65°F
weather icon Clear

County approves 2017 final budget

The tentative budget for fiscal year 2017 approved by Nye County commissioners on Thursday shows the county’s expenses outpace revenues.

While the county’s available revenues are $31.2 million, expenses are $32.9 million.

“The budget is balanced and it has been approved by the Department of Taxation,” Nye County Manager Pam Webster said.

The ending fund balance of the general fund is projected to be $5,889,732. In October 2015, Nye County commissioners repealed Nye County Code Chapter 3.28 that allowed the transfer of $5.8 million equity into a committed fund balance Nye County general fund.

Along with a contingency amount of $200,000, the ending fund balance of the general fund represents 18 percent of the actual prior year expenditures.

Included in fiscal year 2017 budget are real property taxes, consolidated tax, PILT and charges for services.

In 2016, Nye County will not receive money for the net mining proceeds tax that refers to the fee imposed by the state on minerals that are sold, similar to sales tax. Webster said the county will get the net proceeds for 2016 within the next few days.

Real property taxes are projected to be $11.3 million in 2017.

“I think it’s going to be actually a little higher than this projection but I kept it conservative at this point,” she said about real property taxes.

Recently, the county saw a large increase in consolidated tax. From a budgeted $11.1 million, the county is $1.0 million higher in a projection. The PILT numbers are showing higher for 2016 than budgeted because the county got part of 2015’s money in 2016, Webster said.

Proceeds from charges for services are lower than budgeted. Webster said they could come in stronger than projected but she has taken a conservative approach in her estimates.

Cuts from ag extension, public works and total increases to general funds are expected to be in the general fund and will be reflected in a tax rate structure.The county adjusted the ag extension’s tax rate down from 1.5 cents to one cent.

The county’s projected $33 million in expenses includes a 9.5 percent increase through the health care insurance premium; also included are staff salary increases.

Webster said supplies and services were held to the FY 2016 levels with two exceptions. The clerk’s office was increased for election expenses and IT was increased about $25,000 for increased maintenance agreements on the county’s network hardware and software.

Webster said she wants to continue the 90-day hiring freeze to continue to build the ending fund balance.

All approved positions filled or unfilled at this time are budgeted. Some are in the process of being filled, some are going through the 90-day hiring freeze period. Others are scheduled to be filled July 1.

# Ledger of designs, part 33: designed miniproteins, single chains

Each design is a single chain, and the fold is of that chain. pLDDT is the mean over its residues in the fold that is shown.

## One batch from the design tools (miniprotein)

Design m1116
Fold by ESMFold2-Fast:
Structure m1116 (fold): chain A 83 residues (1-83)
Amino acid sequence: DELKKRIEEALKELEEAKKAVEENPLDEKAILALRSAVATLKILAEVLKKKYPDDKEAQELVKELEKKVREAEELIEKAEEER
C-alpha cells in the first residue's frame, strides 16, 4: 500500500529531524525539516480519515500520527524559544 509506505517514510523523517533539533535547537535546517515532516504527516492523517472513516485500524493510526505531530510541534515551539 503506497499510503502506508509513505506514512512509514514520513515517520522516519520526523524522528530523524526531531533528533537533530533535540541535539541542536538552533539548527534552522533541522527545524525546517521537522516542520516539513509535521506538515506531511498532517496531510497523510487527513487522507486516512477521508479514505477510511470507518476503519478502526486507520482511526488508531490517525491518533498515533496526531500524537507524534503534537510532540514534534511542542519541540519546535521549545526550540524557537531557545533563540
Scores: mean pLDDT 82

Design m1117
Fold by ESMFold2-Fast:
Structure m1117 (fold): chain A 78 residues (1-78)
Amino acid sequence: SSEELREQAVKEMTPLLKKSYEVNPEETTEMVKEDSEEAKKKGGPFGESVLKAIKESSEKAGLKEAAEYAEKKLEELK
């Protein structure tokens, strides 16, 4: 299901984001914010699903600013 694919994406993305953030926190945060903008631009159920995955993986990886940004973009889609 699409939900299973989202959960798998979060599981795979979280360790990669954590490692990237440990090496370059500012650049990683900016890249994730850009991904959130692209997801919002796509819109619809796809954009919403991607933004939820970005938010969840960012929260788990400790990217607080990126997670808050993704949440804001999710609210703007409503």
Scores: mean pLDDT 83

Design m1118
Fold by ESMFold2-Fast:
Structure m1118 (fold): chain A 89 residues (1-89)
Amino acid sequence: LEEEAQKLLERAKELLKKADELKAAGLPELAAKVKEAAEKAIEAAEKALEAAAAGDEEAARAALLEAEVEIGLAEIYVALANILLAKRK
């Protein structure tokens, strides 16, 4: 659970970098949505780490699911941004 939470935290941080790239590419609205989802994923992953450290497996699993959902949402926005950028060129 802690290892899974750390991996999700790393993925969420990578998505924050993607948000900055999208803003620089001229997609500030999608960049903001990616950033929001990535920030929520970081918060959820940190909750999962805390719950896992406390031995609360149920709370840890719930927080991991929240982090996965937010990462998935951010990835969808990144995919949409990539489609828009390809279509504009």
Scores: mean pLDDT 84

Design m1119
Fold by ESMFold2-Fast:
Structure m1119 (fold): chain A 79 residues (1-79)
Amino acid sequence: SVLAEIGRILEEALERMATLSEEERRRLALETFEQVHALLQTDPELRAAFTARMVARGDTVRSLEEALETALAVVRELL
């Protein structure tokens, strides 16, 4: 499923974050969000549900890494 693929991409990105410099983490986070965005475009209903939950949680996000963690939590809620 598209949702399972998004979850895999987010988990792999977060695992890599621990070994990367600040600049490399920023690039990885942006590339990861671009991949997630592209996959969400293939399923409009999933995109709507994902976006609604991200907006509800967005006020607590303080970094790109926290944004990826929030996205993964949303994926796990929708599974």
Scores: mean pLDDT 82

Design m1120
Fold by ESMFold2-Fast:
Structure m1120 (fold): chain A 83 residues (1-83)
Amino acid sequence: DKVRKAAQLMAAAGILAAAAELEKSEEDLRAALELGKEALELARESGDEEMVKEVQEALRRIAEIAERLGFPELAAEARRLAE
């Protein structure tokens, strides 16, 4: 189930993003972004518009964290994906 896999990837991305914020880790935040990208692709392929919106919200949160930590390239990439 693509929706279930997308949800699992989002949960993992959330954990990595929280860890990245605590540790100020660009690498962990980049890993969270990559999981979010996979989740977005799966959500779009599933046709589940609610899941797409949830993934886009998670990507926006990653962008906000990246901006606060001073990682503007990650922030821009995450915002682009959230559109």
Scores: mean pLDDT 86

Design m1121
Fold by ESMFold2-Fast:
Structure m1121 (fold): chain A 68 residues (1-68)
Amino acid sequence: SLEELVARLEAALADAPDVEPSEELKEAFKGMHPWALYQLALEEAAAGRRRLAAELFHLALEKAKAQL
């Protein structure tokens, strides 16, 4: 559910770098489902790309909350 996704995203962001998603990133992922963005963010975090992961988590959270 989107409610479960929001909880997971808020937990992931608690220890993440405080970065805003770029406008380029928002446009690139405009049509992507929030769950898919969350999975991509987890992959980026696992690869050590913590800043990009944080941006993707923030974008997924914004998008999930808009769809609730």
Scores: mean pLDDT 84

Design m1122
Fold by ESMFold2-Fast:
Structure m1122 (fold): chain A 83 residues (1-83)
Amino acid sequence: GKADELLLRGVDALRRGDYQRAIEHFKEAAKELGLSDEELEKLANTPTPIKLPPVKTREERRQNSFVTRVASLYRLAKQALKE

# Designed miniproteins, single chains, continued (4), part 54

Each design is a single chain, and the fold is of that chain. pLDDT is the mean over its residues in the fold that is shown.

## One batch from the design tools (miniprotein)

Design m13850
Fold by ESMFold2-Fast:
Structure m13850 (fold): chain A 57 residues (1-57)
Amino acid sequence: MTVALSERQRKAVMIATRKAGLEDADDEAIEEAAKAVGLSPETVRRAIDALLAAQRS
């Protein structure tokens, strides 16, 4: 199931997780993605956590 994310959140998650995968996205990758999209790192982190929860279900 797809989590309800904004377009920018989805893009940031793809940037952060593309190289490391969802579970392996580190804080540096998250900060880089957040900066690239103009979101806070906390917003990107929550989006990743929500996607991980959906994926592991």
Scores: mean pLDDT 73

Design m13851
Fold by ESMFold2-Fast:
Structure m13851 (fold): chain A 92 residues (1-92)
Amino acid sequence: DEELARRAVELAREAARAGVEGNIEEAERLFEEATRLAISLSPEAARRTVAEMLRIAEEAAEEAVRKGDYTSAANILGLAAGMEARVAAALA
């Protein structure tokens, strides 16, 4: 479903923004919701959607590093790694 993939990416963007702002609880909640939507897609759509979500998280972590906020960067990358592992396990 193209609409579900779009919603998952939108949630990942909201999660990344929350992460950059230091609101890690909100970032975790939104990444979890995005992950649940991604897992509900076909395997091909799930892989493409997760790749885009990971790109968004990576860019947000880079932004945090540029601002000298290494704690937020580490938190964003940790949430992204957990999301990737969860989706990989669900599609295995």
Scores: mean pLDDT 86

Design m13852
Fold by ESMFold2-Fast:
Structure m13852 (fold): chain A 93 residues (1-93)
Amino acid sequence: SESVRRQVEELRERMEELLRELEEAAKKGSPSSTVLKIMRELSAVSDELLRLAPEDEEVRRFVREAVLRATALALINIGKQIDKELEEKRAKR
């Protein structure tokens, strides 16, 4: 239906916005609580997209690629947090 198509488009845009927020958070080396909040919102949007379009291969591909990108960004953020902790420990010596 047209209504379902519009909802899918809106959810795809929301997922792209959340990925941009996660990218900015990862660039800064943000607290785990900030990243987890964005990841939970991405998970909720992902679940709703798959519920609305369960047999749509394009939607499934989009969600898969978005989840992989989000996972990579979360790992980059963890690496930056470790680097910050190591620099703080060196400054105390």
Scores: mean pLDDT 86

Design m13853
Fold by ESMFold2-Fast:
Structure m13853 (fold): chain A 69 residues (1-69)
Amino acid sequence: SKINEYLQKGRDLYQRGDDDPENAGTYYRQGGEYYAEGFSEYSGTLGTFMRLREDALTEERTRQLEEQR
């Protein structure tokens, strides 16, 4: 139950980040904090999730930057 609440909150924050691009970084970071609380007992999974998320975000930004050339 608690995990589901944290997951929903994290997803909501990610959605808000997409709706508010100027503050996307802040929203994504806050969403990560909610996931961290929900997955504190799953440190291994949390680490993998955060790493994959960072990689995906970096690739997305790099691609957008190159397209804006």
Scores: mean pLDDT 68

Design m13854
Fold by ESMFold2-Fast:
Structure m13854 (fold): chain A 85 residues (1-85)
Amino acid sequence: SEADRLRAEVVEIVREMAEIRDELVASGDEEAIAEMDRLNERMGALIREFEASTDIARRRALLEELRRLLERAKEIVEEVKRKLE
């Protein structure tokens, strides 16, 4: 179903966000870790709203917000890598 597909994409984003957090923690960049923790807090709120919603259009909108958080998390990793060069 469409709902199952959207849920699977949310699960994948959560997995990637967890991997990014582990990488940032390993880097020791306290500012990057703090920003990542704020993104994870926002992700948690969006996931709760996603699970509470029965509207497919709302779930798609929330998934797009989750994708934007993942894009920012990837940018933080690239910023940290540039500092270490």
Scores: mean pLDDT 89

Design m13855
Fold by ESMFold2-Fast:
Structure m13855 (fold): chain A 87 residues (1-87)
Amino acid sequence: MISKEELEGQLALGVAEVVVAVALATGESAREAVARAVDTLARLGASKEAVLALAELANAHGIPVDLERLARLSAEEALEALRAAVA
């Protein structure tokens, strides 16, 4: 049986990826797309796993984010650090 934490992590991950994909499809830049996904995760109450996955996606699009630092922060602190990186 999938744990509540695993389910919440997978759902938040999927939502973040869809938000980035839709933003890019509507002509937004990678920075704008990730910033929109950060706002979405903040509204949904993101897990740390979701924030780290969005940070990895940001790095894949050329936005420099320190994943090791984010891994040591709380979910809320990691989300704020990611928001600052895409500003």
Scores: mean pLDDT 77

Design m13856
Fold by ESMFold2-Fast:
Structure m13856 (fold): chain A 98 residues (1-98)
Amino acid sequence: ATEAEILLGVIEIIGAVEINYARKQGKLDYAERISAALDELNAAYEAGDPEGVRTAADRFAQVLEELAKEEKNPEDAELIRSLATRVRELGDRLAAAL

In March, the county projected a $1.5 million budget shortfall.

Don't miss the big stories. Like us on Facebook.
THE LATEST
Three die in Inyo County crash

Pahrump Valley Fire and Rescue Services crews responded to several fatal vehicle crashes last weekend.

Nye County residents honored as Nevada heroes

Throughout the disruption and chaos caused by the COVID-19 pandemic, there have been everyday citizens doing incredible work to help their communities through these difficult times, giving countless hours and endless energy in the mission to keep people safe, healthy and connected and Nevada Health Response is striving to ensure those actions do not go unnoticed.

PVYA goes virtual for 2020

Pahrump Valley Youth Activities was nearly forced to forego its 2020 Summer Camp due to the COVID-19 pandemic but through a partnership with the NyE Communities Coalition, the beloved annual event has been saved and will now take place virtually, helping keep both participants and staff safe and healthy.

Nye County Commission meetings and certain offices reopen to public

On Tuesday, June 2, the Nye County Commission held its first meeting with in-person public attendance since early March, when the governor declared a state of emergency due to the COVID-19 outbreak and issued an emergency directive banning gatherings of more than 10 people.

Optimizing your freezer saves time and money

Freezing food saves time by reducing grocery store runs and money when you purchase sale items in quantity. Make the most of your investment by using your freezer to its full potential.

Pahrump’s Leslie Street freshly paved, county to tackle finish work

Leslie Street in the Pahrump Valley has a fresh new coat of asphalt, with paving of the 1-mile stretch between Irene Street and Basin Avenue concluding as of June 1. There is, however, still some finishing work to be done before the project is complete, tasks that, just as the prep work conducted before the paving was laid, will be handled by Nye County Public Works crews.

Ford warns against utility imposter scams

Nevada Attorney General Aaron Ford on Friday advised Nevadans to watch out for utility imposter phone scams as local businesses reopen.

Sisolak approves plan for tests, labs, contact tracing

Gov. Steve Sisolak on Monday, June 1 announced the approval of a comprehensive community-based testing, laboratory analysis and contact tracing plan to support efforts to reopen Nevada’s economy.

Study shows record high rates of food insecurity

One in three children will experience food insecurity this year because of the COVID-19, according to the annual Map the Meal Gap study released Tuesday by Three Square Food Bank.